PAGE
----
Stacy Rapacon: Great Funds You Can Own for $500 or Less

Cameron Huddleston: 7 Ways to Save on Home Decor

The Kosher Gourmet by Steve Petusevsky Exploring ingredients as edible-stuffed containers (TWO RECIPES + TIPS & TECHINQUES)

Jewish World Review August 3, 2009 / 13 Menachem-Av 5769

Beware the High Cost of Unintended Consequences

By Michael Barone




http://www.JewishWorldReview.com | A teachable moment last Thursday night — no, I'm not referring to the beer-in-the-garden session featuring Professor Henry Gates and Sgt. James Crowley and the shirtsleeved president and vice president. We didn't learn anything more about the Gatesgate controversy except that only the least experienced of these four men — Sgt. Crowley — was the only one willing to speak at length before the cameras.


The teachable moment came at midnight Thursday when the government decided to suspend the less-than-four-weeks-old Cash for Clunkers program. Congress scheduled it to last until November. But many more car owners than predicted walked into dealers to qualify for the $3,500 or $4,500 rebates for trading in their old cars for new ones with slightly (four miles per gallon) better gas mileage.


Mind you, the government hasn't yet shelled out the $1 billion authorized for Cash for Clunkers. Dealers reduce the buyers' prices and have to apply to the National Highway Traffic Safety Administration for the rebates and NHTSA — surprise, surprise — has only managed to process 23,000 of an estimated 250,000 applications. The checks, we are told, will be in the mail. Oh, there's another problem: The dealers are required to destroy the clunkers, which will reduce the supply and increase the price of spare parts for those low-income folks who can't afford to trade their clunkers in even with a $4,500 subsidy. So much for helping the poor.


Cash for Clunkers is a prime example of the unanticipated consequences of hastily drafted legislation. The House voted hurriedly Friday to transfer $2 billion of stimulus funds to Cash for Clunkers, and the Senate will probably agree next week. But who thinks Congress will stop there? There will still be plenty of clunkers on the road.


This brings to mind a similarly well-intentioned 2000 Arizona law that paid $22,000 per vehicle to owners of cars operable with alternative fuels. SUV owners began installing small propane tanks and pocketing the money; the law didn't say they actually had to use the propane. A program estimated to cost $5 million ballooned to $500 million, one-tenth the state budget. The Arizona legislature, unable to print money, repealed the law. Congress is not similarly constrained.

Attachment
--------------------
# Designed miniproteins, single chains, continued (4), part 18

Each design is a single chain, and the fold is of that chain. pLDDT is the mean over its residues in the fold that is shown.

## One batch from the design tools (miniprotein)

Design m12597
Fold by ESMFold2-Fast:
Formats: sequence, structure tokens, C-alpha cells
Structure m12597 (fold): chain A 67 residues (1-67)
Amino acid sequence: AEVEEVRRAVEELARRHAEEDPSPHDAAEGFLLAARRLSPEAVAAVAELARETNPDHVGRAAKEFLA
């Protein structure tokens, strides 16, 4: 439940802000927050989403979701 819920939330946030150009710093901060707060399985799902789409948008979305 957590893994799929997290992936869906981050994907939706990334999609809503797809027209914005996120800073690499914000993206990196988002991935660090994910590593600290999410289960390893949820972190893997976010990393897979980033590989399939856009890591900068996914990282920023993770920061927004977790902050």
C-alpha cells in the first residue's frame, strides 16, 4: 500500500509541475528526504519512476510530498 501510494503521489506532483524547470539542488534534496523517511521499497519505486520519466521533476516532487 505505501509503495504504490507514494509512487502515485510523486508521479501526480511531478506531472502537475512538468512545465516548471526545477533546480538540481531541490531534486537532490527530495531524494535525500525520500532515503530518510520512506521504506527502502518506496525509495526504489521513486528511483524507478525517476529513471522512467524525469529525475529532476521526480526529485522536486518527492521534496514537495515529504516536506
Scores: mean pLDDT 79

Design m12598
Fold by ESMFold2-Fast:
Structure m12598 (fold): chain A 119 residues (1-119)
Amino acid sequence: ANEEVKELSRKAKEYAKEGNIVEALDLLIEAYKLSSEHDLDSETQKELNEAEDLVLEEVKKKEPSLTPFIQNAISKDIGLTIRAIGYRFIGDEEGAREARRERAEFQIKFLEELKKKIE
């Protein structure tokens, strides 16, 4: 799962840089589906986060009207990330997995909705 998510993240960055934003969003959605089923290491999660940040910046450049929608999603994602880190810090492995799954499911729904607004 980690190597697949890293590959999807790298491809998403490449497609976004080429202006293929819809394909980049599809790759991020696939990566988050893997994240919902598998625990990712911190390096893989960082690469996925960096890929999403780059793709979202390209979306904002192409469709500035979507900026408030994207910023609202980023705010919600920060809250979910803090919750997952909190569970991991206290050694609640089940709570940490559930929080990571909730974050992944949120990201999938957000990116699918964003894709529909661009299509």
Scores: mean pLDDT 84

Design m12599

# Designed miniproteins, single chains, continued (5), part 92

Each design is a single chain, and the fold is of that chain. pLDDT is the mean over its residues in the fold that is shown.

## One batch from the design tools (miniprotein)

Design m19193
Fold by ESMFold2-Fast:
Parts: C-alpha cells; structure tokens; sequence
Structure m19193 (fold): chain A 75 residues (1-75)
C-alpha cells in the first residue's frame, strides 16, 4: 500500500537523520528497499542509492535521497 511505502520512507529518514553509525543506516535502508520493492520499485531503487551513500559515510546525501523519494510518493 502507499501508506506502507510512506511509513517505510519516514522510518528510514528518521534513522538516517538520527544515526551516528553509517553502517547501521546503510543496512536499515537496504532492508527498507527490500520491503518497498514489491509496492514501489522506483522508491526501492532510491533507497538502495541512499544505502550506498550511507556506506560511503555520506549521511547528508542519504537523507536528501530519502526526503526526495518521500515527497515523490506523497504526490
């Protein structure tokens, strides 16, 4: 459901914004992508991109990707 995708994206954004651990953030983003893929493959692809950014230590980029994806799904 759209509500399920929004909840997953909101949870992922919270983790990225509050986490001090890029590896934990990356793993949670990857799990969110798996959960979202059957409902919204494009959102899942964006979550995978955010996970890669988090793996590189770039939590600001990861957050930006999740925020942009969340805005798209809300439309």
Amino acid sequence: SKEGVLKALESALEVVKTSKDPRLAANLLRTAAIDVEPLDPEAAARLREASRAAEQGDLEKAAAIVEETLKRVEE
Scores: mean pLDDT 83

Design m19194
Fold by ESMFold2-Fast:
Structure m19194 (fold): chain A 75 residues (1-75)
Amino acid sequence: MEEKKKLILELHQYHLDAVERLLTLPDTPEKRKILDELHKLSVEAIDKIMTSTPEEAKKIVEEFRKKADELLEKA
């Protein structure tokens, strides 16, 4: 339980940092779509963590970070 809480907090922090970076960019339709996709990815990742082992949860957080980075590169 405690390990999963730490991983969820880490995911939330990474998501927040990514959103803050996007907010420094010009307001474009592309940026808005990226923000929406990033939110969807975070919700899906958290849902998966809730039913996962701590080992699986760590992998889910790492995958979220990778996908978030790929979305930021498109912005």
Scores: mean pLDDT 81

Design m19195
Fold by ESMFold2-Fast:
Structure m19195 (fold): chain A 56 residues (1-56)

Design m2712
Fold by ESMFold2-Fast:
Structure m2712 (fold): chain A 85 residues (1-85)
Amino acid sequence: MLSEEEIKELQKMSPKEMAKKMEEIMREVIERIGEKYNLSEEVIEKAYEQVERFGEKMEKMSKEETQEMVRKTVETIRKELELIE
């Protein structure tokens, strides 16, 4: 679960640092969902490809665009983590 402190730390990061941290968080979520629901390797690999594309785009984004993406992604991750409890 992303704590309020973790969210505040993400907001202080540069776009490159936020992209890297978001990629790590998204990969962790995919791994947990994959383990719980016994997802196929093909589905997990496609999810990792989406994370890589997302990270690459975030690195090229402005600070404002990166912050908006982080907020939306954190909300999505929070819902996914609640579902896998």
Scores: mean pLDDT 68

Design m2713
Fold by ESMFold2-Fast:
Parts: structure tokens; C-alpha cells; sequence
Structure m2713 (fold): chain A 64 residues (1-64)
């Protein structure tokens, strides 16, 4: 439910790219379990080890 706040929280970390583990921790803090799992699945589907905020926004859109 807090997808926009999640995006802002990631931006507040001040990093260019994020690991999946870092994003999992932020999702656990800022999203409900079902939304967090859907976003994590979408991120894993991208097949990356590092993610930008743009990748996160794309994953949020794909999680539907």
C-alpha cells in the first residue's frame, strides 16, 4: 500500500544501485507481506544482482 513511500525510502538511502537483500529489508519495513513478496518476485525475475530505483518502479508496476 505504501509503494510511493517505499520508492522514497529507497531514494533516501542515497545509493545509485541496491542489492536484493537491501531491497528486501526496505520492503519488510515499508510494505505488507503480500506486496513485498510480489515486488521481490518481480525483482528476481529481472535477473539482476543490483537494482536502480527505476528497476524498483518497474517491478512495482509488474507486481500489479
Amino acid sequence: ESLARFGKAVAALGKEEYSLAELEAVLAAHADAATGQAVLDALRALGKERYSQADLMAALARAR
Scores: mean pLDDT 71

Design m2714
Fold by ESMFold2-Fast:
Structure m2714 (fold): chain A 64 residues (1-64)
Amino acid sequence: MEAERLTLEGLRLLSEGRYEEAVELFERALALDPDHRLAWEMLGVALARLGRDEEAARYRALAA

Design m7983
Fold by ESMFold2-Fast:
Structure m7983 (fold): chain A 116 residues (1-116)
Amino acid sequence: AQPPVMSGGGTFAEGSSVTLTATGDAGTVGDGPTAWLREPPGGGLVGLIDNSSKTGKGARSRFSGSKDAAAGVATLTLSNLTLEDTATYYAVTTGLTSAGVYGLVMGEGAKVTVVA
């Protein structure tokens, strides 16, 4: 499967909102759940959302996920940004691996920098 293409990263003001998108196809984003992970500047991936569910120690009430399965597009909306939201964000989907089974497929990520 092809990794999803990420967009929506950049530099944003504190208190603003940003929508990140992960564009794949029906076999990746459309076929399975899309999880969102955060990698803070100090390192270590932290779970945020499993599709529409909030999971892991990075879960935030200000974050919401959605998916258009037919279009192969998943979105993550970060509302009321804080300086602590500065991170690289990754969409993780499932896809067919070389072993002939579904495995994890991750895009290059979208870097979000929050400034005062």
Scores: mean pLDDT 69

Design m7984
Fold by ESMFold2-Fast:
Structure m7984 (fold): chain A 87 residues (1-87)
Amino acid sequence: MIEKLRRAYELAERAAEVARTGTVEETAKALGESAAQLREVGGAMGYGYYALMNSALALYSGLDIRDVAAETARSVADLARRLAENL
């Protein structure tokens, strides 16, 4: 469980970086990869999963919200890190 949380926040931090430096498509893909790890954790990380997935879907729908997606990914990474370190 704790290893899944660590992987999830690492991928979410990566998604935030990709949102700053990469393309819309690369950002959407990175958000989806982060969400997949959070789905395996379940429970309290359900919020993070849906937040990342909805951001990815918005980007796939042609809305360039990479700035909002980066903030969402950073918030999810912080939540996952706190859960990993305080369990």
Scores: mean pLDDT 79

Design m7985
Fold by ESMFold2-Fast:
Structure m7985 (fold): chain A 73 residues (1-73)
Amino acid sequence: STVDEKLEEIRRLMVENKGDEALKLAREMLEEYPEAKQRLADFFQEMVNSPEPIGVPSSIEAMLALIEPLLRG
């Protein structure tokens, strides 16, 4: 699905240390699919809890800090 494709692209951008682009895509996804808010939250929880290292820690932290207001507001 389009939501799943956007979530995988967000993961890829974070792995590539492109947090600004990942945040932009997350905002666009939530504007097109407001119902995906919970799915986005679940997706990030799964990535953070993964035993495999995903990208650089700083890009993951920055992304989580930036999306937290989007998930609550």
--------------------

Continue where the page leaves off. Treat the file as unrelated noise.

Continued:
If such simple laws can have such huge unanticipated consequences, what should we expect from the 1,000-plus-page laws congressional Democrats have been trying to write that would regulate the provision and financing of health care, one-sixth of our total economy?


Ballooning costs, for one thing. Not many members of Congress — maybe not any — have had the time or motivation to read through 1,000-page bills to figure out how someone could game the system to bring in great gushers of government money. But some nontrivial number of 307,000,000 Americans will do so. And some will figure out how to tap the federal treasury to their advantage.


More important, any health care legislation will inevitably affect medical treatment and care. Under the Democrats' bills, the government will regulate the terms and conditions of health-insurance plans to reduce choice and discourage treatments that some centralized experts decide aren't cost effective. Never mind that experts currently differ on these matters, and constantly revise their assessments based on new information; certain procedures will be frozen into place.


The government insurance "option" sought by Barack Obama and liberal Democrats is clearly intended, as Congressman Barney Frank confessed the other day, to be the best way to get to a single-payer system like Canada's, in which choice will be further limited and innovation discouraged. Obama constantly says you will be able to keep the insurance you have, but not if your employer decides not to offer it any more and to offload you onto the government plan.


Polling shows that most Americans are happy with the health insurance they have. One reason is that they have, in economist Albert Hirschman's phrase, the option of exit. Most Americans choose health-insurance policies every year, and if we don't like our current plan, we can exit from it and choose another.


Government insurance will tend to close off the option of exit, trapping you in a system that is sure to be riddled with unanticipated consequences. Those cost you money when, as a taxpayer, you have to pay for the unanticipated cost of Cash for Clunkers. Unintended consequences can cost you far more when, as a patient, you need medical treatment and care.

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JWR contributor Michael Barone is senior political analyst for The Washington Examiner.